The OCC produced a 100-page report documenting evidence in data and statements of how the bank “caused hundreds of thousands” of employees to engage in illegal or unethical behavior. The personal statements of employees and managers are hair-raising. Here are just a few.
In October 2016, one former member of the bank operating committee likened the culture problem as failing to distinguish right from wrong: “Our people opened unauthorized accounts. This is like lying and stealing, which your mother taught you was really bad.”
Another employee wrote to the CEOs office in in 2013, “I was in the 1991 Gulf War … and I had less stress in war than working for Wells Fargo.”
“Employees fear of being terminated for not meeting unreasonable sales goals was justified,” the OCC stated. Between 2011 and 2016 the bank terminated some 8520 employees for sales performance issues.
In 2010, an employee complained to a bank executive that reaching sales numbers, “will force the staff to cheat,” and that, “The noose around our neck has tightened (and) this type of practice guarantees high turnover, a managerial staff of bullying taskmasters, (and) bankers who are really financial molesters and cheaters.”
In 2009 a corporate manager wrote, “we have heard for years,” that sales pressure is the cause of illegal or unethical practices. “A standard line we hear is ‘I can play by the rules and get fired for not making unrealistic goals or I can cheat and hope I don’t get caught.’”
Employee turnover was high – the OCC estimated 35% annually.
While regulators have different responsibilities and regimes, comparing two regulators’ approaches is be fruitful.
The SEC took a different approach to Wells Fargo – an approach it often takes: disclosure. Disclosure has too often become the go-to solution for the SEC in addressing conflicts of interest. This became especially clear in the first term of the Obama administration.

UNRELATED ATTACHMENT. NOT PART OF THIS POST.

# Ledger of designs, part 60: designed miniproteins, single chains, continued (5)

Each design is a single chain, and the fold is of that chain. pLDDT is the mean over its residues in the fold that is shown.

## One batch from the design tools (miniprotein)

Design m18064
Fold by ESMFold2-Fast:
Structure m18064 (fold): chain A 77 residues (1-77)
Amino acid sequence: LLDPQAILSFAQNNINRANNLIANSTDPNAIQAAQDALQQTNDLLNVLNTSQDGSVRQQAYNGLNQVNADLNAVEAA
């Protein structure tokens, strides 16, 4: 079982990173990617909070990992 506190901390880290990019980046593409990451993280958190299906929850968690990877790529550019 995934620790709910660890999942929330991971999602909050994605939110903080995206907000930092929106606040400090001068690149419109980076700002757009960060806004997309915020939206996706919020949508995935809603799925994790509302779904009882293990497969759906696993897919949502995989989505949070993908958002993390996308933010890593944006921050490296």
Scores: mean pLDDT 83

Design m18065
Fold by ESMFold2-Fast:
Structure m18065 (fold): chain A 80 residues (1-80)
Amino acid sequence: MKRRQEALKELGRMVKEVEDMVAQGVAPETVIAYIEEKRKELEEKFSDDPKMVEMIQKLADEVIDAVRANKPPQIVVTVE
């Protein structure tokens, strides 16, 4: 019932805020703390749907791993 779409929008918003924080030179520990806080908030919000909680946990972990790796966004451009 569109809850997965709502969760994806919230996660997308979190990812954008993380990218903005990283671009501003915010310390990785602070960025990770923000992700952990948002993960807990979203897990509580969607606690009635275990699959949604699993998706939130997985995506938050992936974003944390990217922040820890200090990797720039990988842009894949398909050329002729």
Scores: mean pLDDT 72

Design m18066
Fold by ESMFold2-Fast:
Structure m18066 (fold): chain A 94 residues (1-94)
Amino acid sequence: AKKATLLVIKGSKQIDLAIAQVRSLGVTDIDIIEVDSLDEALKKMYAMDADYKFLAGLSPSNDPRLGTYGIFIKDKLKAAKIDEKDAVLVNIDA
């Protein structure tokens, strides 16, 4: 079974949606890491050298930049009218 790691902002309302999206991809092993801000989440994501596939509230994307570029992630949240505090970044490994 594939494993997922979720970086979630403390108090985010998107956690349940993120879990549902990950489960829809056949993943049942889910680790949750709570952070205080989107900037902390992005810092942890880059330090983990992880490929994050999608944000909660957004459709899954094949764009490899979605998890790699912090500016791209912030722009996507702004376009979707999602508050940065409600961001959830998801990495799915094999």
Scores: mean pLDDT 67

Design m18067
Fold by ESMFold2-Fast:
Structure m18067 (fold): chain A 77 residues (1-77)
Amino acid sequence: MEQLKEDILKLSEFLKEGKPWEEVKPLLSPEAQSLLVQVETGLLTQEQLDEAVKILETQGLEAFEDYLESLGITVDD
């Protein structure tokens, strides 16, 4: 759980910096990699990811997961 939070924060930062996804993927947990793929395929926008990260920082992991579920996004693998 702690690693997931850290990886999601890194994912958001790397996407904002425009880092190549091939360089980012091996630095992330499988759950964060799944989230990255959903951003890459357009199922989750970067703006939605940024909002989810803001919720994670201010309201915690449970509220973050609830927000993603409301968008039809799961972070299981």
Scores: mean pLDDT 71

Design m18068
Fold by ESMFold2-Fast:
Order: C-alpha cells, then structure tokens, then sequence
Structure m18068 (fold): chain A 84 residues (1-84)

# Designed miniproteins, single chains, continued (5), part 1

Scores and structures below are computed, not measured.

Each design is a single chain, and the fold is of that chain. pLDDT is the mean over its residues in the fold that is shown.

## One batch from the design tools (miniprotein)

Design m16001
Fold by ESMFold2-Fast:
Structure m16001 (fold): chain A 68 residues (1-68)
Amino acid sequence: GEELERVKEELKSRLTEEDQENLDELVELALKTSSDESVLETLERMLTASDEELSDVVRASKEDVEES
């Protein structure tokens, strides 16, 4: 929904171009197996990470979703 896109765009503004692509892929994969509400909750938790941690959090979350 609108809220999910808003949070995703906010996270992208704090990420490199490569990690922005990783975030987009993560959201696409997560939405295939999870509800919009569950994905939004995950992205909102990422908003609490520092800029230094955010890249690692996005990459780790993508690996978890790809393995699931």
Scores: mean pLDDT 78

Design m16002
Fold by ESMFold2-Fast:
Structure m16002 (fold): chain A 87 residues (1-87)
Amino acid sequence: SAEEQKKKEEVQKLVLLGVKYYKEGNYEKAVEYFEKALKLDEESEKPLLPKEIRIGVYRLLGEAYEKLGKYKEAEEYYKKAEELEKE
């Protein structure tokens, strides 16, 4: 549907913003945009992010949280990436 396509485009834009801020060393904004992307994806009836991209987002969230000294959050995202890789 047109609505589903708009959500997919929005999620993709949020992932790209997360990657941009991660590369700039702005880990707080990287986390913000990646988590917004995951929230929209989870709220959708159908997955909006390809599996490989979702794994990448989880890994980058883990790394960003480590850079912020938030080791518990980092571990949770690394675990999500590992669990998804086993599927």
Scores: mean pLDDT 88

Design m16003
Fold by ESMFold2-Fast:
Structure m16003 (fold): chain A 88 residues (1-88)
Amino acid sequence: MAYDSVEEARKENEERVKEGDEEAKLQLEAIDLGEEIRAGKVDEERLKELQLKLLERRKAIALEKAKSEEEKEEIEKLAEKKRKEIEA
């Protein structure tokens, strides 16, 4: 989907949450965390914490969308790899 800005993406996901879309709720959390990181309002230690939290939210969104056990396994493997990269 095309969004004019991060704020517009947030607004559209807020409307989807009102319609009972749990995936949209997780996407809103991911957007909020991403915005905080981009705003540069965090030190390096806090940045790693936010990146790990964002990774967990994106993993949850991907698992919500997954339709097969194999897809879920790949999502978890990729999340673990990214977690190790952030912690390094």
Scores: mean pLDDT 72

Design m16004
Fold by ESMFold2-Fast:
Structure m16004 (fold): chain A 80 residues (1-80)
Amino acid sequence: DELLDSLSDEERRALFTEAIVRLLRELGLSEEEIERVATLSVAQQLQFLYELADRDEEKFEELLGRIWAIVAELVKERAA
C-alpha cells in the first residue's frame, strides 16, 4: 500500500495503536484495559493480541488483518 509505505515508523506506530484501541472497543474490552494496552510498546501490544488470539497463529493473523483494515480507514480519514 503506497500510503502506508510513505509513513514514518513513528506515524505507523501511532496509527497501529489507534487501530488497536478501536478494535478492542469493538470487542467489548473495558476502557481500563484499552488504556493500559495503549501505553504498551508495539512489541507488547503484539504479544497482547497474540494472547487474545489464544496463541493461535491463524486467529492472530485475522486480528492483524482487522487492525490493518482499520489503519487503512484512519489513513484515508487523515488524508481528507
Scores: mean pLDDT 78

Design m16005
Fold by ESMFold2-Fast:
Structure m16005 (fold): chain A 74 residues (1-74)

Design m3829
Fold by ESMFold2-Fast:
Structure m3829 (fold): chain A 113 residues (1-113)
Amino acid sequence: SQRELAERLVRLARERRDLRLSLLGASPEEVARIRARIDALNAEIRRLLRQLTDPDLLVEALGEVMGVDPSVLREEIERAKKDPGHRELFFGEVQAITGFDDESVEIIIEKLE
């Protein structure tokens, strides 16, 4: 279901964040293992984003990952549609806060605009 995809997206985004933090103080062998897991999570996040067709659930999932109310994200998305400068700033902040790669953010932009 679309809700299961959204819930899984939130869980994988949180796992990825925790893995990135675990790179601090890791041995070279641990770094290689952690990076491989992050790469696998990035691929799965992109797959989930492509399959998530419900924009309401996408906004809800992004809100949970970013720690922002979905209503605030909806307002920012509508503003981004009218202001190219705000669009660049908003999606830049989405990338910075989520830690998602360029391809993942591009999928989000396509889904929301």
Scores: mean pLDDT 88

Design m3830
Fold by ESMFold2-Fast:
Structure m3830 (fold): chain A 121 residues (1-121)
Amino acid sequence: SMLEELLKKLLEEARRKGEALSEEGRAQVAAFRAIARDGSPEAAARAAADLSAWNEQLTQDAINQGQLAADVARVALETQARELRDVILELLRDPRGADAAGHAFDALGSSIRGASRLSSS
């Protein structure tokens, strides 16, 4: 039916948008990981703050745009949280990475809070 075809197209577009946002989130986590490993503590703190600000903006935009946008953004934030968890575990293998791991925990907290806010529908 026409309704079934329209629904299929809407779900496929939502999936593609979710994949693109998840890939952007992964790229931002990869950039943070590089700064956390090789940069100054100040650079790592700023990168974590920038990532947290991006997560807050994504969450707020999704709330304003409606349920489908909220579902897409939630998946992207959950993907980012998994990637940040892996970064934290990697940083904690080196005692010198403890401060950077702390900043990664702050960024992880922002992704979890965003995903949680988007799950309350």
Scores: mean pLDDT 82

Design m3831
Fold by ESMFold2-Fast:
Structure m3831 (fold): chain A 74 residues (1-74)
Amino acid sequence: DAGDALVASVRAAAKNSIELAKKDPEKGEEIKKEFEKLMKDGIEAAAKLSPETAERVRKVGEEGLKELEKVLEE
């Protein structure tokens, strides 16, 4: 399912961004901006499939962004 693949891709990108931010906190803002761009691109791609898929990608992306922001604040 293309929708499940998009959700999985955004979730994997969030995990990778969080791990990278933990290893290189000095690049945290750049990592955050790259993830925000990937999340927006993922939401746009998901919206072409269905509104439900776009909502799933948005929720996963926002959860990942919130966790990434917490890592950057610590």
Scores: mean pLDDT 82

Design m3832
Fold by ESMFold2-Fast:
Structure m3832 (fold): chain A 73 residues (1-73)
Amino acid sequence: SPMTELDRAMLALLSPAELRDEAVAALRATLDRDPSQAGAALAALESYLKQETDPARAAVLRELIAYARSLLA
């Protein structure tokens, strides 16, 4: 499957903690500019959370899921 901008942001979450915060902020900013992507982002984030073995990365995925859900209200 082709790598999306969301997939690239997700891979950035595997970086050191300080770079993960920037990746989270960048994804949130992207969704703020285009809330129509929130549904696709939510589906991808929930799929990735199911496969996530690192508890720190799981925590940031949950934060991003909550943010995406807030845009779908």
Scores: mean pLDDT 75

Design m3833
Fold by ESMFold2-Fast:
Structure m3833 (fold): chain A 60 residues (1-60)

In the SEC’s share-class initiative, it rightly ruled against dual registrants who failed to recommend less costly identical shares, calling it insufficient disclosure. Failures have largely been deemed disclosure lapses, instead of fiduciary or execution errors.
This is wrong. Labeling a decision to recommend a more costly identical share should be, on its face, a serious fiduciary breach. Labeling it a disclosure failure understates the seriousness of the breach of fiduciary duty.
The SEC’s charges in Wells Fargo were about misleading investors. The SEC alleged Wells Fargo misled investors with inaccurate data as part of its cross-selling “needs-based” strategy and its blind drive to see the bank succeed. Bank executives championed accounts illegally or unethically issued.
This is wrong and misleading. The larger point is whether charges of disclosure failures and misleading investors sufficiently captures the illegal or unethical conduct that requires action. Too often disclosure failures obscure larger failures.
Yellen’s Wells Fargo edict was historic. The OCC’s subsequent consent orders were revealing. The sheer magnitude of Wells Fargo illegal conduct that the OCC has shown as occurring for over 14 years is hard to fathom.
The media has come to call the Wells Fargo fiasco the “fake accounts scandal,” which gets 196 million Google hits as a search term. The problem is that Washington has diluted the meaning of “fake” and “scandal.” A more relevant label, in light of OCC’s investigations, is “illegal-accounts program.”